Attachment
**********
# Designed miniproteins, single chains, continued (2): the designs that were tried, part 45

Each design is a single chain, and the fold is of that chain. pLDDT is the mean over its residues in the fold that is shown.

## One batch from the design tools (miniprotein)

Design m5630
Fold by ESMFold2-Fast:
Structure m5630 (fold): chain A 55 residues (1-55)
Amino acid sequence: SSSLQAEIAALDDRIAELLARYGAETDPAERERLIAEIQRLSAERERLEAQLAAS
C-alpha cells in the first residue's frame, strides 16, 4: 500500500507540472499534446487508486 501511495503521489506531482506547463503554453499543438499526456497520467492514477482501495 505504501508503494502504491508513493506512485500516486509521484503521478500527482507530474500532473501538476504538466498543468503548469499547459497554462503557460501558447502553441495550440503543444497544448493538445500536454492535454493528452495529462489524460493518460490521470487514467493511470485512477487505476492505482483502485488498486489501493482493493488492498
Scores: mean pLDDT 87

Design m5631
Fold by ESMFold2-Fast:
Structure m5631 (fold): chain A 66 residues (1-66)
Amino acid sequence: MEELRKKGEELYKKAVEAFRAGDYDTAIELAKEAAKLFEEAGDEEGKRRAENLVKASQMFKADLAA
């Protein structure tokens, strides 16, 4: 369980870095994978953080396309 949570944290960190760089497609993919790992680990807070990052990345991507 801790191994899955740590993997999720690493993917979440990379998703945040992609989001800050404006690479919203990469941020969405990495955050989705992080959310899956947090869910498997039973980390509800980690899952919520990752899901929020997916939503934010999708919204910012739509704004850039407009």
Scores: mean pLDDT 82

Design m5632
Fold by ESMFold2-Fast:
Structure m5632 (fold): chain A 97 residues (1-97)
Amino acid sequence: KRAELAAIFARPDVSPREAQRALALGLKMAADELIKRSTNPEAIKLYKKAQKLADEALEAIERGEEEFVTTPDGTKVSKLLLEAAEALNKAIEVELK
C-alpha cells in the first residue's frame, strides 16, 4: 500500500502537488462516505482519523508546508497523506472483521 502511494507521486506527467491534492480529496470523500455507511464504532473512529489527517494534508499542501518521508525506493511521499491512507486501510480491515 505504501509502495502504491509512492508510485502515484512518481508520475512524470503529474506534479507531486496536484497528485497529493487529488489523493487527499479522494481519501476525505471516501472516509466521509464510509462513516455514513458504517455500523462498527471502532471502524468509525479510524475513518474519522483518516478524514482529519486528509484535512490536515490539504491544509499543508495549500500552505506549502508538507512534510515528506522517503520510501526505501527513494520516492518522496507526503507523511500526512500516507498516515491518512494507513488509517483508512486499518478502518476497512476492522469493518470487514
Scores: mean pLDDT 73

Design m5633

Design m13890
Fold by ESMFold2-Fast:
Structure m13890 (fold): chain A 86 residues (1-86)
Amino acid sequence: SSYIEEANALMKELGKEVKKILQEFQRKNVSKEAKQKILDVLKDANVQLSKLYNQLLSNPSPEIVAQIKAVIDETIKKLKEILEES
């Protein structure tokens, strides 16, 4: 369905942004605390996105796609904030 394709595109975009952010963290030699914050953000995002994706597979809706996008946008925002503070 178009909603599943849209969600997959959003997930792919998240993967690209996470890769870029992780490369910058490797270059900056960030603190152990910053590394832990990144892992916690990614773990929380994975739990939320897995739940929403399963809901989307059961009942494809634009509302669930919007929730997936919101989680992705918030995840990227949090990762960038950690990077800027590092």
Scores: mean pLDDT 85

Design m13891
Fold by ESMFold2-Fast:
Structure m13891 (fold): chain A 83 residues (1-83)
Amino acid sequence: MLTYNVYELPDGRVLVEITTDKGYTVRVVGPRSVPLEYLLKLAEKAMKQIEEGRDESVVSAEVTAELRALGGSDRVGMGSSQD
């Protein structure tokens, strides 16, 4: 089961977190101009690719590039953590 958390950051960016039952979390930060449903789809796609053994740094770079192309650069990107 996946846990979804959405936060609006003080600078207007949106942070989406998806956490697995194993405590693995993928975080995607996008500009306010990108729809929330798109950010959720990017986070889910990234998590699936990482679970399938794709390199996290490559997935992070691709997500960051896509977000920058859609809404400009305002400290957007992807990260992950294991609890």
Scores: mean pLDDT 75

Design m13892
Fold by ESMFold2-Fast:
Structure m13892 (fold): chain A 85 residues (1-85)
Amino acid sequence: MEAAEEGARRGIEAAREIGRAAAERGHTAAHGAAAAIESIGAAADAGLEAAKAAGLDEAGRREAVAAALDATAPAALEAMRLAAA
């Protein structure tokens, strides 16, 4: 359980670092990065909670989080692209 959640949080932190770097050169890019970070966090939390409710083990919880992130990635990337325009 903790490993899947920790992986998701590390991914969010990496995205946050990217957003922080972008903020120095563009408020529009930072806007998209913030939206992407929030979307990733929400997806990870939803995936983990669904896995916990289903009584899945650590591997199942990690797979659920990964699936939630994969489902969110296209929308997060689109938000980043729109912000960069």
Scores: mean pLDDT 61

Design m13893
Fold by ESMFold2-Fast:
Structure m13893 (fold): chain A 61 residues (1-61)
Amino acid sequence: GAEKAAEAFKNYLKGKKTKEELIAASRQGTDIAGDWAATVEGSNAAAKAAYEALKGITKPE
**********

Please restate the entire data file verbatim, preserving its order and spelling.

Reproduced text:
# Designed miniproteins, single chains, continued (2): the designs that were tried, part 45

Each design is a single chain, and the fold is of that chain. pLDDT is the mean over its residues in the fold that is shown.

## One batch from the design tools (miniprotein)

Design m5630
Fold by ESMFold2-Fast:
Structure m5630 (fold): chain A 55 residues (1-55)
Amino acid sequence: SSSLQAEIAALDDRIAELLARYGAETDPAERERLIAEIQRLSAERERLEAQLAAS
C-alpha cells in the first residue's frame, strides 16, 4: 500500500507540472499534446487508486 501511495503521489506531482506547463503554453499543438499526456497520467492514477482501495 505504501508503494502504491508513493506512485500516486509521484503521478500527482507530474500532473501538476504538466498543468503548469499547459497554462503557460501558447502553441495550440503543444497544448493538445500536454492535454493528452495529462489524460493518460490521470487514467493511470485512477487505476492505482483502485488498486489501493482493493488492498
Scores: mean pLDDT 87

Design m5631
Fold by ESMFold2-Fast:
Structure m5631 (fold): chain A 66 residues (1-66)
Amino acid sequence: MEELRKKGEELYKKAVEAFRAGDYDTAIELAKEAAKLFEEAGDEEGKRRAENLVKASQMFKADLAA
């Protein structure tokens, strides 16, 4: 369980870095994978953080396309 949570944290960190760089497609993919790992680990807070990052990345991507 801790191994899955740590993997999720690493993917979440990379998703945040992609989001800050404006690479919203990469941020969405990495955050989705992080959310899956947090869910498997039973980390509800980690899952919520990752899901929020997916939503934010999708919204910012739509704004850039407009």
Scores: mean pLDDT 82

Design m5632
Fold by ESMFold2-Fast:
Structure m5632 (fold): chain A 97 residues (1-97)
Amino acid sequence: KRAELAAIFARPDVSPREAQRALALGLKMAADELIKRSTNPEAIKLYKKAQKLADEALEAIERGEEEFVTTPDGTKVSKLLLEAAEALNKAIEVELK
C-alpha cells in the first residue's frame, strides 16, 4: 500500500502537488462516505482519523508546508497523506472483521 502511494507521486506527467491534492480529496470523500455507511464504532473512529489527517494534508499542501518521508525506493511521499491512507486501510480491515 505504501509502495502504491509512492508510485502515484512518481508520475512524470503529474506534479507531486496536484497528485497529493487529488489523493487527499479522494481519501476525505471516501472516509466521509464510509462513516455514513458504517455500523462498527471502532471502524468509525479510524475513518474519522483518516478524514482529519486528509484535512490536515490539504491544509499543508495549500500552505506549502508538507512534510515528506522517503520510501526505501527513494520516492518522496507526503507523511500526512500516507498516515491518512494507513488509517483508512486499518478502518476497512476492522469493518470487514
Scores: mean pLDDT 73

Design m5633

Design m13890
Fold by ESMFold2-Fast:
Structure m13890 (fold): chain A 86 residues (1-86)
Amino acid sequence: SSYIEEANALMKELGKEVKKILQEFQRKNVSKEAKQKILDVLKDANVQLSKLYNQLLSNPSPEIVAQIKAVIDETIKKLKEILEES
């Protein structure tokens, strides 16, 4: 369905942004605390996105796609904030 394709595109975009952010963290030699914050953000995002994706597979809706996008946008925002503070 178009909603599943849209969600997959959003997930792919998240993967690209996470890769870029992780490369910058490797270059900056960030603190152990910053590394832990990144892992916690990614773990929380994975739990939320897995739940929403399963809901989307059961009942494809634009509302669930919007929730997936919101989680992705918030995840990227949090990762960038950690990077800027590092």
Scores: mean pLDDT 85

Design m13891
Fold by ESMFold2-Fast:
Structure m13891 (fold): chain A 83 residues (1-83)
Amino acid sequence: MLTYNVYELPDGRVLVEITTDKGYTVRVVGPRSVPLEYLLKLAEKAMKQIEEGRDESVVSAEVTAELRALGGSDRVGMGSSQD
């Protein structure tokens, strides 16, 4: 089961977190101009690719590039953590 958390950051960016039952979390930060449903789809796609053994740094770079192309650069990107 996946846990979804959405936060609006003080600078207007949106942070989406998806956490697995194993405590693995993928975080995607996008500009306010990108729809929330798109950010959720990017986070889910990234998590699936990482679970399938794709390199996290490559997935992070691709997500960051896509977000920058859609809404400009305002400290957007992807990260992950294991609890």
Scores: mean pLDDT 75

Design m13892
Fold by ESMFold2-Fast:
Structure m13892 (fold): chain A 85 residues (1-85)
Amino acid sequence: MEAAEEGARRGIEAAREIGRAAAERGHTAAHGAAAAIESIGAAADAGLEAAKAAGLDEAGRREAVAAALDATAPAALEAMRLAAA
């Protein structure tokens, strides 16, 4: 359980670092990065909670989080692209 959640949080932190770097050169890019970070966090939390409710083990919880992130990635990337325009 903790490993899947920790992986998701590390991914969010990496995205946050990217957003922080972008903020120095563009408020529009930072806007998209913030939206992407929030979307990733929400997806990870939803995936983990669904896995916990289903009584899945650590591997199942990690797979659920990964699936939630994969489902969110296209929308997060689109938000980043729109912000960069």
Scores: mean pLDDT 61

Design m13893
Fold by ESMFold2-Fast:
Structure m13893 (fold): chain A 61 residues (1-61)
Amino acid sequence: GAEKAAEAFKNYLKGKKTKEELIAASRQGTDIAGDWAATVEGSNAAAKAAYEALKGITKPE